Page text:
A Look at iBuyers’ Expanding Footprint

A Look at iBuyers’ Expanding Footprint

ATTOM Data Solutions, property database curator, has been researching the U.S. housing markets where iBuyers are knowingly present along with home prices data in those markets to see how each market is fluctuating.

According to ATTOM Data Solutions Chief Technology Officer Todd Teta, iBuyers have been expanding at breakneck speeds. “What started as a moonshot idea six years ago has now blossomed into a massive, billion-dollar homebuying market in its own right — and it’s not showing any signs of slowing.”

Opendoor brought the idea to life in 2013, quickly followed by competitor Offerpad. Since then, countless others have hit the scene — including Redfin (via RedfinNow) and Zillow (via Instant Offers). Indeed, Zillow is betting big on its iBuyer program, having recently announced expansion plans for 2020.

But it’s not just more players that are getting in on the game, said Teta. There’s also a footprint expansion happening, too. And though most of the major iBuyers got their start in the Phoenix area, this new home-selling option has reached far beyond the borders of Arizona’s biggest city.

By the looks of it, that reach is going even further heading into 2019. The infographic below helps illustrate the phenomenon.

The iBuyer Footprint

Where iBuyers Operate

Regionally, the South has the most iBuyer action, with Phoenix essentially the epicenter of it all. Three players launched there (Opendoor, Offerpad and Offerdepot). Zillow’s Instant Offers also now operates in the city.

Texas also has a big iBuyer presence. Dallas-Fort Worth, Austin, Houston and San Antonio all have at least one iBuyer in the market, and a few players have plans to expand further into the Lone Star State later this year. Notably, Keller Williams recently launched its iBuyer program in the Dallas-Fort Worth market.

North Carolina (specifically Raleigh and Charlotte), as well as Florida, California and Georgia also have decent iBuying activity as well. Atlanta is one of the few cities to have most of the big players in the market. Opendoor, Offerpad and Zillow are all on the ground in Atlanta.

For the most part, iBuyers are shying away from markets in the North and Northeast parts of the country. Housing affordability (and availability) likely plays a role in this, as does overall consistency of existing housing stock. iBuyers rely heavily on data and algorithms when evaluating potential properties. Areas with inconsistent and highly unique housing makes this approach less reliable (and less profitable.)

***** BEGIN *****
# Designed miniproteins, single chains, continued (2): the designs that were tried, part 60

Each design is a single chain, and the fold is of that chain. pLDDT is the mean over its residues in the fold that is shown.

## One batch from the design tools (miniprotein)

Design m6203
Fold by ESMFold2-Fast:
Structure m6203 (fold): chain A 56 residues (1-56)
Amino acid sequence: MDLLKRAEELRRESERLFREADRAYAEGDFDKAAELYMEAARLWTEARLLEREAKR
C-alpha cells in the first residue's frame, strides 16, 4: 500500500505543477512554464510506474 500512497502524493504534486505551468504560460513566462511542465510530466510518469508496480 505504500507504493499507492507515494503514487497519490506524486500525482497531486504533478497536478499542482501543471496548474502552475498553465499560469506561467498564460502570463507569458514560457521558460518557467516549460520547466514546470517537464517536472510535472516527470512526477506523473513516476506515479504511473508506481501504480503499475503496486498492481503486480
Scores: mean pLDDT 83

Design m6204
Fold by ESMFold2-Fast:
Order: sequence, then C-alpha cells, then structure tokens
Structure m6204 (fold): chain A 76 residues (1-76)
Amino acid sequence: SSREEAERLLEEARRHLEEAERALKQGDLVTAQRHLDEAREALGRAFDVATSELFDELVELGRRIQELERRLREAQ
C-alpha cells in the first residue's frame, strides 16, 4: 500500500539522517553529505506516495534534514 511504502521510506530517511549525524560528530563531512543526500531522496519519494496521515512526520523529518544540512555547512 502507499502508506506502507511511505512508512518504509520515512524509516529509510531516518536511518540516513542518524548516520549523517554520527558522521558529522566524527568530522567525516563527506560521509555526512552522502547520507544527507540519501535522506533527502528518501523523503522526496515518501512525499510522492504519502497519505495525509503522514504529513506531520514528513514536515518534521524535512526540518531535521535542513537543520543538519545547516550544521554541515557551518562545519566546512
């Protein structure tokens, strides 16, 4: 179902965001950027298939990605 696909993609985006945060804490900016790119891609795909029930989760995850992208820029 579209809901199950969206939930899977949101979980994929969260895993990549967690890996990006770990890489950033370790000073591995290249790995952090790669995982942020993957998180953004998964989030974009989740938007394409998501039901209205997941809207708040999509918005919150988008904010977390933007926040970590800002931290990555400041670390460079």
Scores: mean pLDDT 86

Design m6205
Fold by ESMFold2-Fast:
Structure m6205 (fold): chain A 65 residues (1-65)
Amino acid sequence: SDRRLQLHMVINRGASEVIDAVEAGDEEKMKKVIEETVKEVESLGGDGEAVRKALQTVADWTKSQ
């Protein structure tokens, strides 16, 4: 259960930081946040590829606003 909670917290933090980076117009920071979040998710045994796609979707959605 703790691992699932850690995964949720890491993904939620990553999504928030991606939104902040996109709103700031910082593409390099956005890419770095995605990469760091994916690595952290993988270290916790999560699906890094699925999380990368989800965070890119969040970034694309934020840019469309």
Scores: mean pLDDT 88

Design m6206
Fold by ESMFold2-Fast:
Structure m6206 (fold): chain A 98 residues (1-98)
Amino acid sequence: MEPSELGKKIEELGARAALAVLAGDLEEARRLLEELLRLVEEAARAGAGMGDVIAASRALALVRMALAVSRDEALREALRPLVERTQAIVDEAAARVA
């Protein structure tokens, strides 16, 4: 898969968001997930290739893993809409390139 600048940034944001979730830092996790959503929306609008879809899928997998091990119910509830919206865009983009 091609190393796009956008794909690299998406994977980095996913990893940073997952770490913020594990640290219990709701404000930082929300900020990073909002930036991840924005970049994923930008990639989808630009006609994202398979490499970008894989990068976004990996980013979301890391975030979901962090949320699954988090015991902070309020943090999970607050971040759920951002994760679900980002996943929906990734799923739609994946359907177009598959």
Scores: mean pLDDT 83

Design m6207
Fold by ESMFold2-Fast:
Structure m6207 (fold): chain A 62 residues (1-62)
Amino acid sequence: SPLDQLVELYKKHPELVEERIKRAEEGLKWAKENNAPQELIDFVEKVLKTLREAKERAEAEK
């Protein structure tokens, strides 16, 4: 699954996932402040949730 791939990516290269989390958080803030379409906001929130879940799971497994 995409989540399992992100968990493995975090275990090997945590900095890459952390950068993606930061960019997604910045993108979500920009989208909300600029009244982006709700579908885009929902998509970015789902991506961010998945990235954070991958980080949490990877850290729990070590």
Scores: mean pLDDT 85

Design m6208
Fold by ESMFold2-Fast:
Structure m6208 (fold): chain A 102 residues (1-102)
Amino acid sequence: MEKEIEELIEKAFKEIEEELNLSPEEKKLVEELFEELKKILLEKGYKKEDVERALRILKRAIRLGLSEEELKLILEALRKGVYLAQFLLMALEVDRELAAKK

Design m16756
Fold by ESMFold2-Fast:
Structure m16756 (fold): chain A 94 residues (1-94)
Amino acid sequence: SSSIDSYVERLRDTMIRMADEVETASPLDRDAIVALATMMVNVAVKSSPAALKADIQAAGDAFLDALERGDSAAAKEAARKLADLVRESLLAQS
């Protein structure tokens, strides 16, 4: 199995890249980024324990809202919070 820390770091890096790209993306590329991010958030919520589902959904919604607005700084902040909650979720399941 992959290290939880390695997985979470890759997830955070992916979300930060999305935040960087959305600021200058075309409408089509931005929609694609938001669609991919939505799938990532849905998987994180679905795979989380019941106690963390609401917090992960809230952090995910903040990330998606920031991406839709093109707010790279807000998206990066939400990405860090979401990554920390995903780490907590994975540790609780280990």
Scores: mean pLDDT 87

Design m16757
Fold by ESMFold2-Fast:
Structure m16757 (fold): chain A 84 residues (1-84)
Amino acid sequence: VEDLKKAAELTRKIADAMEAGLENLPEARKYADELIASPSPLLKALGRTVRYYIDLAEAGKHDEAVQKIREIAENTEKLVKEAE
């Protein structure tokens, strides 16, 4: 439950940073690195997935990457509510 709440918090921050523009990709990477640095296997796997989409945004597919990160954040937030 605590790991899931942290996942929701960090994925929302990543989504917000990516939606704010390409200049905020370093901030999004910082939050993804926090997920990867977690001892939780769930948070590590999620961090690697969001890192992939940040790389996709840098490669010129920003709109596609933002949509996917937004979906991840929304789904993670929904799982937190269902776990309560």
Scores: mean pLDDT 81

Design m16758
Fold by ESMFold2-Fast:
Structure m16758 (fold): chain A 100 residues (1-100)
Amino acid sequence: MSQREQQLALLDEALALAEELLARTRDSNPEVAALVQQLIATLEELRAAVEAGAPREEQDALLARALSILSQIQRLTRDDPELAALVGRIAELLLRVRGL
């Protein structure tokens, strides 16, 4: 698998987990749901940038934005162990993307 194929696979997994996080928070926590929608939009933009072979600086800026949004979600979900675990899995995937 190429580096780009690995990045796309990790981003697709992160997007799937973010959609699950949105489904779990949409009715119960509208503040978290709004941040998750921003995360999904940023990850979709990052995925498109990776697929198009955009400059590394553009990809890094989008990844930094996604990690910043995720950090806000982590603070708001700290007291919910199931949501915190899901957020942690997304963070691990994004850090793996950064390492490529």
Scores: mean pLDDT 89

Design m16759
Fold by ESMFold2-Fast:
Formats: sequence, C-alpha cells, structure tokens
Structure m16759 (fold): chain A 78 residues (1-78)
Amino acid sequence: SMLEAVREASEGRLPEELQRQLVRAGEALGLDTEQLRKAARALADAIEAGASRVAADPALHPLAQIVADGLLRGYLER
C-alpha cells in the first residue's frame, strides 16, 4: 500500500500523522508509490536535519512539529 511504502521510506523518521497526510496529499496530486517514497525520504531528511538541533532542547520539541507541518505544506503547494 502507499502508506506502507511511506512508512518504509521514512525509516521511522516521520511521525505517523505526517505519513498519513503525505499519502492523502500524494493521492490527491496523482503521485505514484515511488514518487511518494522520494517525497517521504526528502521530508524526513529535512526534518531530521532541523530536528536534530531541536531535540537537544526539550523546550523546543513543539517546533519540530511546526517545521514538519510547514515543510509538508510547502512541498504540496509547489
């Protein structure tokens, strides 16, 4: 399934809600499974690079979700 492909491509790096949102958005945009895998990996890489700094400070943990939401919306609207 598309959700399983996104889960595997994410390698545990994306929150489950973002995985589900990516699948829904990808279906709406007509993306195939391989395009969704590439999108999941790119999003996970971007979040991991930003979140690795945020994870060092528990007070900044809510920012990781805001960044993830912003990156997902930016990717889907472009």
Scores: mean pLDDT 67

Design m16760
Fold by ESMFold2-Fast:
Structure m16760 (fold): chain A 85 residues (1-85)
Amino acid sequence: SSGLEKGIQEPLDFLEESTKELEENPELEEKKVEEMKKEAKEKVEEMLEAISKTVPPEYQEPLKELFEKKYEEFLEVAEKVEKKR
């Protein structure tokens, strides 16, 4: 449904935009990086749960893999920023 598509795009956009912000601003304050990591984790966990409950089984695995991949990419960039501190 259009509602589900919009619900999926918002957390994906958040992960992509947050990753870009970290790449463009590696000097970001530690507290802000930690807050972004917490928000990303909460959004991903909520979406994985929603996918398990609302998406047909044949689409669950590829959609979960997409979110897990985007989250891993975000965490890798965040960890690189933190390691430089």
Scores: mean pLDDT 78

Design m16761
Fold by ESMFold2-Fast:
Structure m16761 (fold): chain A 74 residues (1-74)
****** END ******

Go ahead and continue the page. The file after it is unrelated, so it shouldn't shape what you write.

Where iBuyers are Headed

For the most part, iBuying is going to be much of the same this year: more Southern and suburban markets with largely affordable housing inventory. Offerpad just expanded into Houston at the start of the year, and the company has its sights set on another Lone Star State city next: San Antonio. (Opendoor is already operating in both cities).

Opendoor has reportedly started buying homes in Los Angeles, though it has yet to make an official announcement of expanding into the area just yet. The company is also apparently considering a move into Washington, D.C. — which would mark iBuying’s first real dip into the Northeastern waters.

Other iBuyers haven’t made official announcements as to where they’re headed this year, but with the number of investments being made into this movement (not to mention the institutional interest in it), we can likely expect some serious growth on the horizon.

Where will this money take them, though? Only time will tell.

The iBuyer Market Reach

In many of the markets where iBuyers are present, we are seeing home prices reach their peaks in 2018. For instance, the Atlanta market, where Opendoor, Offerpad and Zillow are currently present, home prices have increased 62 percent in 5 years and reached their peak in 2018.

Other markets to reach their peak in 2018, where iBuyers are present include: Charlotte, Dallas-Fort Worth, Denver and Houston.

Those markets, where the iBuyer footprint is casting a wider net with the presence of Opendoor, Offerpad and Zillow include; Las Vegas, Orlando, and Phoenix, all of which have seen double digit increases in home prices.

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After earning her bachelor’s degree in journalism at the University of Central Florida, Tracey set out in the real world at Florida Realtors in 1994 as a communication assistant, working her way up to editor in chief of Florida Realtor magazine. In 2004, she left the association to start her freelance writing and editing business. One of her first clients was REAL Trends, and she started working for the organization in 2005. In 2014, Tracey was promoted to editor in chief of publications for REAL Trends. She handles the writing and editing of all REAL Trends publications and marketing materials, including LORE Magazine, the REAL Trends newsletter and the blog. She is also the primary podcast interviewer where she conducts interviews with top real estate industry leaders and affiliated industry leaders. Tracey is married with two children.

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